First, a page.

Updated news on the Gambino, Genovese, Bonanno, Lucchese and Colombo Organized Crime Families of New York City.

Saturday, March 5, 2016

Authorities fear more Montreal mafia murders

Amid unstable times for Montreal’s criminal underworld, this week’s broad daylight killing of a well-known member of the Montreal Mafia will almost certainly bring violent repercussions, organized crime experts say.

So much so that two other convicted Mafia members who were recently released to halfway houses have reportedly been returned behind bars to ensure their own safety.

“The murder of Lorenzo Giordano is certainly to be followed by other ones in the weeks or months to come,” Pierre de Champlain, an author on organized crime, said this week.

After receiving statutory release, Giordano had been living in a halfway house for roughly two months before being shot and killed in a Laval sports centre parking lot Tuesday morning.

Following a lengthy RCMP-led investigation called Projet Colisée, the 52-year-old was arrested in 2007 with five others who had been controlling the Montreal Mafia in the mid-2000s after reputed mob boss Vito Rizzuto’s arrest in 2003.

Two of the other five men — Francesco Arcadi and Francesco Del Balso — received similar releases in February. Media reports, which Correctional Service Canada would not confirm on Thursday, said they were returned to prison this week for their own safety after Giordano was killed.

“An individual is under the surveillance of the CSC until the expiration of their sentence, and that includes while they’re under conditional release,” said Jean-Yves Roy, a spokesperson for the CSC. “The CSC must, at all times, evaluate the level of threats or risks that individuals might be facing.”

In a decision rendered last month, the Parole Board of Canada described Del Balso, 45, as a key member of the Montreal Mafia who was directly involved in corrupting Port of Montreal employees to bring in narcotics, notably cocaine and marijuana.

Police bring Francesco Del Balso, 36 years old, one of the key suspects in a mafia sting was escorted to RCMP headquarters Wednesday, November 22, 2006.

An addicted gambler who became co-owner of a “vast sports gaming network,” the decision says, it’s estimated Del Balso and his accomplices took in $26 million in profit.

Being incarcerated did not initially change his ways, the decision notes, as he was able to recreate a “gang type model” to control “the underground economy within the institution.” He was placed in isolation for threatening and intimating staff members.

And though Del Balso made improvements, the Board ultimately concluded that his values remained the same as when he entered: he was attracted to money, a luxurious lifestyle, power, control and had the “will to use violence to reach his goals.”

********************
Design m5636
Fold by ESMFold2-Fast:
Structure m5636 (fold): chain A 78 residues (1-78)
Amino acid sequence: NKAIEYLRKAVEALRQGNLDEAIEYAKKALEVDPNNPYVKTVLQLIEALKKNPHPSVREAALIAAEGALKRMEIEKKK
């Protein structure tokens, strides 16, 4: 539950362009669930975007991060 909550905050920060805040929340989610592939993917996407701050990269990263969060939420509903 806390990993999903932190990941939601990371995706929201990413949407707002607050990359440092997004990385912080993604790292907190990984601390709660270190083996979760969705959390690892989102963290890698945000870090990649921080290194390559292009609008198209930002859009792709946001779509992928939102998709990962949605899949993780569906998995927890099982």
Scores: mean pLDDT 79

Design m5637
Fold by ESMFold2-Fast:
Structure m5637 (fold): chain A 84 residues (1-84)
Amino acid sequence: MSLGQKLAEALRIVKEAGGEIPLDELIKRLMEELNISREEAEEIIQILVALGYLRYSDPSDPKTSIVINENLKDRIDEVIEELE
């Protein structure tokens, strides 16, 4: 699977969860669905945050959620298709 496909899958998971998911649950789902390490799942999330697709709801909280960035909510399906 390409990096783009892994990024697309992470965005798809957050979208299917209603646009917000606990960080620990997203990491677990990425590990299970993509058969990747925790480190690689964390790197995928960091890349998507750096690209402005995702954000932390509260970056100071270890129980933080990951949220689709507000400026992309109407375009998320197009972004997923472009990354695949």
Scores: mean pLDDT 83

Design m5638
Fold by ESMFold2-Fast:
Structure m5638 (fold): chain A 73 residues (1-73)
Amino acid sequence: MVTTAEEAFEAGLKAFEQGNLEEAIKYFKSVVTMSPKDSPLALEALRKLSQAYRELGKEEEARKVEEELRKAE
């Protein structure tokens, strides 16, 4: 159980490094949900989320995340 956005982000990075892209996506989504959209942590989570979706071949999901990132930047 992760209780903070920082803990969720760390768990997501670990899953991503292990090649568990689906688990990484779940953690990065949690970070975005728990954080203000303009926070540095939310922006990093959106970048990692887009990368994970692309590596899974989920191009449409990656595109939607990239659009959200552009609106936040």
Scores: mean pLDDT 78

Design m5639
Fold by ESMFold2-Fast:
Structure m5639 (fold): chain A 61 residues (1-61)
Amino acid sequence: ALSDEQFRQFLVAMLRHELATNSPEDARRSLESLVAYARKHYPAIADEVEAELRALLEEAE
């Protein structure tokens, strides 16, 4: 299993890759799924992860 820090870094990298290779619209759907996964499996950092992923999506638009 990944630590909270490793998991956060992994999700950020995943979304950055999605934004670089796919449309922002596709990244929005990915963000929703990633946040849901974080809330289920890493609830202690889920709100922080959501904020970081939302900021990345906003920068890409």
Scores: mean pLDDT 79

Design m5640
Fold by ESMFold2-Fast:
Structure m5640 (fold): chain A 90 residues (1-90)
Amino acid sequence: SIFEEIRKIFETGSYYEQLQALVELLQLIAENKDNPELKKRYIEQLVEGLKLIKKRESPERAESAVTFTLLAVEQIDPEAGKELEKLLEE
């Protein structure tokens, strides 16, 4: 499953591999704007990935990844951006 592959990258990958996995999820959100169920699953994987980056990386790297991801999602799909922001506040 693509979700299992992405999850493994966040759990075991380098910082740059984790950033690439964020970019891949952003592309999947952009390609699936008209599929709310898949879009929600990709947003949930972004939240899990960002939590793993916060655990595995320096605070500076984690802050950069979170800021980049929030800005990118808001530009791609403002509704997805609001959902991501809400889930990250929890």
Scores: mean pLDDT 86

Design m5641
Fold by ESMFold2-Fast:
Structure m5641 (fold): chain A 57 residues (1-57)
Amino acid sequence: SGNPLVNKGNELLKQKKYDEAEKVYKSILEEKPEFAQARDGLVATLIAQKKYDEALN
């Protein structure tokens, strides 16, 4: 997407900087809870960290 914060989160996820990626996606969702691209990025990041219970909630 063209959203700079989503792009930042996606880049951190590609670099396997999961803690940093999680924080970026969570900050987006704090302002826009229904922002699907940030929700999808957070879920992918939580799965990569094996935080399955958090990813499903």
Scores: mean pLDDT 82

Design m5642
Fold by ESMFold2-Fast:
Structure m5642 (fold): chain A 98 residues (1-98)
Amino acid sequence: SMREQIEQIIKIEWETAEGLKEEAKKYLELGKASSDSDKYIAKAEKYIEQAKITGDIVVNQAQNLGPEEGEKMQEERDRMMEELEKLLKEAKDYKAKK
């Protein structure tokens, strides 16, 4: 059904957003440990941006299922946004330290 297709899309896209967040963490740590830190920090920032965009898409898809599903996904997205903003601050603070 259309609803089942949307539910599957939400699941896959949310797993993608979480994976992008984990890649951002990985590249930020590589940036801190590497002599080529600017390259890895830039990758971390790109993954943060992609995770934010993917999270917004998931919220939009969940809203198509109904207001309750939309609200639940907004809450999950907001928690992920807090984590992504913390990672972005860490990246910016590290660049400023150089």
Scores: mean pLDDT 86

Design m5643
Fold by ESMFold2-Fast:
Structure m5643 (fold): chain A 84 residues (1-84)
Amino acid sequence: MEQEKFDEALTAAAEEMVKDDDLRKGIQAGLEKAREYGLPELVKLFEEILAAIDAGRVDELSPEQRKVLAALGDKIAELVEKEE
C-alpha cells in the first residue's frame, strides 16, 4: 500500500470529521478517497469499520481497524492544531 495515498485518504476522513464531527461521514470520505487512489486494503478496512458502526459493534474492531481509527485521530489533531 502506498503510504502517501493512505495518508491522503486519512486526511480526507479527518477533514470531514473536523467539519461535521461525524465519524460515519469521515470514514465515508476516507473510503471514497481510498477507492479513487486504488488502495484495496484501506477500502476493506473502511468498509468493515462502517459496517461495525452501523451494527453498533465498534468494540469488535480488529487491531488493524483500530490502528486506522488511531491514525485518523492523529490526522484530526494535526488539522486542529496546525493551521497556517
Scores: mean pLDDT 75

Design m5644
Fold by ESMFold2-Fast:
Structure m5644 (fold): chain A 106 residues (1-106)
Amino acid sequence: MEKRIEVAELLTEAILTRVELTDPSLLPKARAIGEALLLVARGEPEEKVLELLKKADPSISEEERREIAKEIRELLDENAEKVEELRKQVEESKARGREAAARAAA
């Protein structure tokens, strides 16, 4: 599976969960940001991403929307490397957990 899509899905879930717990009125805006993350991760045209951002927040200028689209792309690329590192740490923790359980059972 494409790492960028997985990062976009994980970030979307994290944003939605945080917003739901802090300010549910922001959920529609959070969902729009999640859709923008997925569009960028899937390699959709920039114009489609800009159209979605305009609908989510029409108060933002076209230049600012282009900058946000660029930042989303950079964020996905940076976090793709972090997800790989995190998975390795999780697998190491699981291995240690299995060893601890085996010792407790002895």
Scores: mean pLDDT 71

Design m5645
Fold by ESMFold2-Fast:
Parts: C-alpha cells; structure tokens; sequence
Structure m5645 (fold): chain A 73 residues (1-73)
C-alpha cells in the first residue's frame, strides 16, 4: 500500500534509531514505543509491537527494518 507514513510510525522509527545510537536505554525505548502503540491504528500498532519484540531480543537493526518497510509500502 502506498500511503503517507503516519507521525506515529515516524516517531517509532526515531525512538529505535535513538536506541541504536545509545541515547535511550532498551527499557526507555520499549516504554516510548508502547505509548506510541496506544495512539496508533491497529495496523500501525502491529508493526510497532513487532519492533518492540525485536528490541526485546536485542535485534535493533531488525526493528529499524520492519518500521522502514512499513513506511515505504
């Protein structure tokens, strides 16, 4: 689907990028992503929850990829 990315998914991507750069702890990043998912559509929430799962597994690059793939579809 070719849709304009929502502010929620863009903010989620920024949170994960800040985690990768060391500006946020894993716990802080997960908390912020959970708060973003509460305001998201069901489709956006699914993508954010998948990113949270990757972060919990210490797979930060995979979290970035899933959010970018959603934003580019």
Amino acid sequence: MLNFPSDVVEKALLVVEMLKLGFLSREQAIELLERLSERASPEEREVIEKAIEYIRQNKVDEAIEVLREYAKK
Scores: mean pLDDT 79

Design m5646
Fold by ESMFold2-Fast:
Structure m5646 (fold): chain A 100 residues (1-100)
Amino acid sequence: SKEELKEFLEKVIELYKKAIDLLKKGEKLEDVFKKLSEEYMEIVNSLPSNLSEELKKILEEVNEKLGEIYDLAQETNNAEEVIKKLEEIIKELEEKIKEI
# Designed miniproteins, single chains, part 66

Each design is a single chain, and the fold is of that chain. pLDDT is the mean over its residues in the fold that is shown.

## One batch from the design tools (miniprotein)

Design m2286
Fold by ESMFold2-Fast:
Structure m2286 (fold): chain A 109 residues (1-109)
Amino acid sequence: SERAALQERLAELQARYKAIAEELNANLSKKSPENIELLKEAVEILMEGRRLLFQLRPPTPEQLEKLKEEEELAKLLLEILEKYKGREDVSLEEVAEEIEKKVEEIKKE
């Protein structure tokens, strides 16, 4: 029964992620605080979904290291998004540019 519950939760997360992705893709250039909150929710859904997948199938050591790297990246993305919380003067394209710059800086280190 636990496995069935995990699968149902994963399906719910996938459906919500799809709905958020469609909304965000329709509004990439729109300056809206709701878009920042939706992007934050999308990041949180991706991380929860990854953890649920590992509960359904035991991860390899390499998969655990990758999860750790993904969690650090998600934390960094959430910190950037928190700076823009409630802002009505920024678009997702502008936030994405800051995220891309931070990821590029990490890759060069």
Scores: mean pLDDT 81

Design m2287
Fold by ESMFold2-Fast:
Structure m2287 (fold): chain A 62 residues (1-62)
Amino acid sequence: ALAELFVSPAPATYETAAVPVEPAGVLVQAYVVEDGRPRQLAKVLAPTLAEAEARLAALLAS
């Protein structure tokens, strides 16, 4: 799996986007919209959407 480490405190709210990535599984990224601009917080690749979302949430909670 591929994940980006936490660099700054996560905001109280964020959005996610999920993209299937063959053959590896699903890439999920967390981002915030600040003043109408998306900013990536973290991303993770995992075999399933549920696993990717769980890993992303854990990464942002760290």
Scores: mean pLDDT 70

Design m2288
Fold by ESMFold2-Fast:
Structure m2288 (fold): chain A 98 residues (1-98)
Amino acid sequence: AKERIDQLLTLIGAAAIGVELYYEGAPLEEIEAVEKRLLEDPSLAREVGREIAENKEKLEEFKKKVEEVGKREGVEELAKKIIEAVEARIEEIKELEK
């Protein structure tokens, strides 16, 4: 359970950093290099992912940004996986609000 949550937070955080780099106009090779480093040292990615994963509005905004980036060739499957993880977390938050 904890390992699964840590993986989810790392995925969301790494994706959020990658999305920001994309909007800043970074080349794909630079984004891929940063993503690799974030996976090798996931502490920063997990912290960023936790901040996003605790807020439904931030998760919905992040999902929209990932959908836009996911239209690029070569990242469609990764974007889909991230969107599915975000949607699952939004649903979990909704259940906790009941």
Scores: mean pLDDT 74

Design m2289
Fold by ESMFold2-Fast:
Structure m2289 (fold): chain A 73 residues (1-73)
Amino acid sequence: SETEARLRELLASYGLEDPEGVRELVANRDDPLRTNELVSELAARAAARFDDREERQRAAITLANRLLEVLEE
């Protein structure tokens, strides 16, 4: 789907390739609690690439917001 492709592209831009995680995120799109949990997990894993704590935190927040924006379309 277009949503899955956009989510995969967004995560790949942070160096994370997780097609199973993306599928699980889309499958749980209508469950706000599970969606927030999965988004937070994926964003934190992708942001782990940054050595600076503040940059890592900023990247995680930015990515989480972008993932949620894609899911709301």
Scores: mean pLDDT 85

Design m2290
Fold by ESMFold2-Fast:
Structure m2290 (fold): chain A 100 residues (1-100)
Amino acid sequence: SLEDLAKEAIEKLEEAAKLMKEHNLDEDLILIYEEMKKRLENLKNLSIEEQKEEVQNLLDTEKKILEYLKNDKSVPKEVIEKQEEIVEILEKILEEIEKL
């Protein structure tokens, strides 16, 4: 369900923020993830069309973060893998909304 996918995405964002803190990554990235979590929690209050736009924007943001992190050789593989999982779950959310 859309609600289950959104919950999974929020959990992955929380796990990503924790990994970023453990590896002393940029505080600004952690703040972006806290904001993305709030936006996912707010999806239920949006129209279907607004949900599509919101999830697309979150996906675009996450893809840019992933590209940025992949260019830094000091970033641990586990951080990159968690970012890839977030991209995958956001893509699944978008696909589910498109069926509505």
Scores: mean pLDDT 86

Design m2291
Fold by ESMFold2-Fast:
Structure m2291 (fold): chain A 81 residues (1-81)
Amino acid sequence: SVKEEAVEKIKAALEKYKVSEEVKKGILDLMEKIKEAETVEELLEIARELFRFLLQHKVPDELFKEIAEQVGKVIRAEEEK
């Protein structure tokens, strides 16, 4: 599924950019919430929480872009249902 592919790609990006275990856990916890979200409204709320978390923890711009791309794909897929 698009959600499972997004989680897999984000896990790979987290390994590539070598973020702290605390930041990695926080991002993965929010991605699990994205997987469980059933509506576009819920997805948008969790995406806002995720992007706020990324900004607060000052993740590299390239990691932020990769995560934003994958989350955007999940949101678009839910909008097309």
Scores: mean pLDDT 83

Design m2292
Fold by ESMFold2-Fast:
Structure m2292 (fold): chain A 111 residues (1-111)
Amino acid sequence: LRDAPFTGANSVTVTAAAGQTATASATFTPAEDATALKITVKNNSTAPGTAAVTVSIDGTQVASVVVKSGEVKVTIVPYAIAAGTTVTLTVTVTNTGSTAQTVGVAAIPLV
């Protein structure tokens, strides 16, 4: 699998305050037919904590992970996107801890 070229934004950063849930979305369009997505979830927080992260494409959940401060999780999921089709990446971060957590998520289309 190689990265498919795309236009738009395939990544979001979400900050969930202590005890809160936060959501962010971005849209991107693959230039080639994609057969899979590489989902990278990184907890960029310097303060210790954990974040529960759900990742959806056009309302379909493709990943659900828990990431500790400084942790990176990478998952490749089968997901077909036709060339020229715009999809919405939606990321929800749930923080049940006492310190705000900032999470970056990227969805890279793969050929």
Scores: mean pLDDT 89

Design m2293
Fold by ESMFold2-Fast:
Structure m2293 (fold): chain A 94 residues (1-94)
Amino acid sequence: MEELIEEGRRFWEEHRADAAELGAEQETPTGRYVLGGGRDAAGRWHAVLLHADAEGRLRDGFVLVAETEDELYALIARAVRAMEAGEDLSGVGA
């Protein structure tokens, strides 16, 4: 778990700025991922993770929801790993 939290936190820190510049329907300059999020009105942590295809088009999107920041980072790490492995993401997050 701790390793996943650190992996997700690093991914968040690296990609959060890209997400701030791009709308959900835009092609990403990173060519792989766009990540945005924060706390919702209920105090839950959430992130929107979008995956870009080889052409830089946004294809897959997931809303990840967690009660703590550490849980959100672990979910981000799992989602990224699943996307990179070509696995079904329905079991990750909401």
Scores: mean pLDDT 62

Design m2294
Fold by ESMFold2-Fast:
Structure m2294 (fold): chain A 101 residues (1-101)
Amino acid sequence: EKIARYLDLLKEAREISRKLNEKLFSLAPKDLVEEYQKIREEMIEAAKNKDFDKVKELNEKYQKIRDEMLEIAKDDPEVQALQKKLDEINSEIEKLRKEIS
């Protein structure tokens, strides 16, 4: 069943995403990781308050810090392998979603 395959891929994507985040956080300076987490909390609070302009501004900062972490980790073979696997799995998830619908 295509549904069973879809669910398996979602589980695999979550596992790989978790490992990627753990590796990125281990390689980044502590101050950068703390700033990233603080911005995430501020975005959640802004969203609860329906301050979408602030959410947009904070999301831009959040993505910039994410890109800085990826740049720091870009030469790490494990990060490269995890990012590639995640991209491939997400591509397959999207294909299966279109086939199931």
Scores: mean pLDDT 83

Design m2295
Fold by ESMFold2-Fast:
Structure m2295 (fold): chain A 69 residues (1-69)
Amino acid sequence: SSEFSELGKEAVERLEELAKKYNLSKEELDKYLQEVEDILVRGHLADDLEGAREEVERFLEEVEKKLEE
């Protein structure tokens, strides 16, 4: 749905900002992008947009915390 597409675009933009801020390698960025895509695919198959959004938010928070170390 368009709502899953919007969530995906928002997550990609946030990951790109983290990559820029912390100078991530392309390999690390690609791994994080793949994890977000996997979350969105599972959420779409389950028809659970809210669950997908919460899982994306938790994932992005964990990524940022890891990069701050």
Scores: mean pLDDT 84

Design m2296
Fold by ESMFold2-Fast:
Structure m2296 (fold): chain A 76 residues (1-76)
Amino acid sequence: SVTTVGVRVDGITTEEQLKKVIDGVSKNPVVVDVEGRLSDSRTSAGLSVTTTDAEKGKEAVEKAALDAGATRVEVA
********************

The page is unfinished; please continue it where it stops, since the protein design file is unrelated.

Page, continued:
Francesco Arcadi, the man police considered Vito Rizzuto’s replacement in the Canadian Mafia, was among the organized crime figures arrested Wednesday November 22, 2006 in Montreal.

If Del Balso slightly changed his ways, the Board decided that Arcadi, 62, hadn’t at all.

“You seem to be the same person you were when you arrived, more than seven years ago,” the Board noted in a separate decision in February.

According to the decision, Arcadi was a highly ranked member of the Montreal Mafia, who despite not being charged with any violent crimes, was often consulted about them before they took place.

“You tell him: Don’t you touch this fellow or I will slit your throat like a goat,” the decision says he once ordered someone.

Arcadi told the Board he wished to live a simple life upon being released. He wanted to garden, raise animals and spend time with his family. He didn’t fear for his safety, though he planned on equipping his residence with a fence and security cameras.

The decision makes reference to how two other men described only as “accomplices” were recently released — an apparent reference to Del Balso and Giordano. It says police allege their releases have already had important repercussions in the criminal underworld, before noting its current state of instability.

That instability comes from the Montreal Mafia living a “moment of great uncertainty,” organized crime expert and author Antonio Nicaso said on Thursday.

“Something has changed,” he said over the phone from Italy. “And it’s a difficult situation to understand, and one that could lead to more violence.”

In November, police alleged that Leonardo Rizzuto, 46, and Stefano Sollecito, 48, were the new heads of the Montreal Mafia. The two were arrested after police investigations that uncovered an important alliance between the Mafia, the Hells Angels and street gangs.

“It’s a complete change in the criminal landscape,” Nicaso said. “A turning point in the Montreal underworld. Something that Montreal has never experienced before.”

The Mafia has spread around the world “like a spider casting its web” because it was able to build relationships with politicians and businessmen that could be used to its benefit, he said.

Its greatest weapon is what Montrealers got a glimpse of during the Charbonneau Commission, Nicaso said: the power of corruption.

Acts of violence, like Tuesday’s killing and its predicted fallout, are not its strength, he added.

They’re instead an obvious sign that something is not right among its ranks.

“When they shoot one another, when there are guns, when there is violence,” Nicaso said, “it’s because there is instability. It’s a sign of weakness. A sign of transition.”



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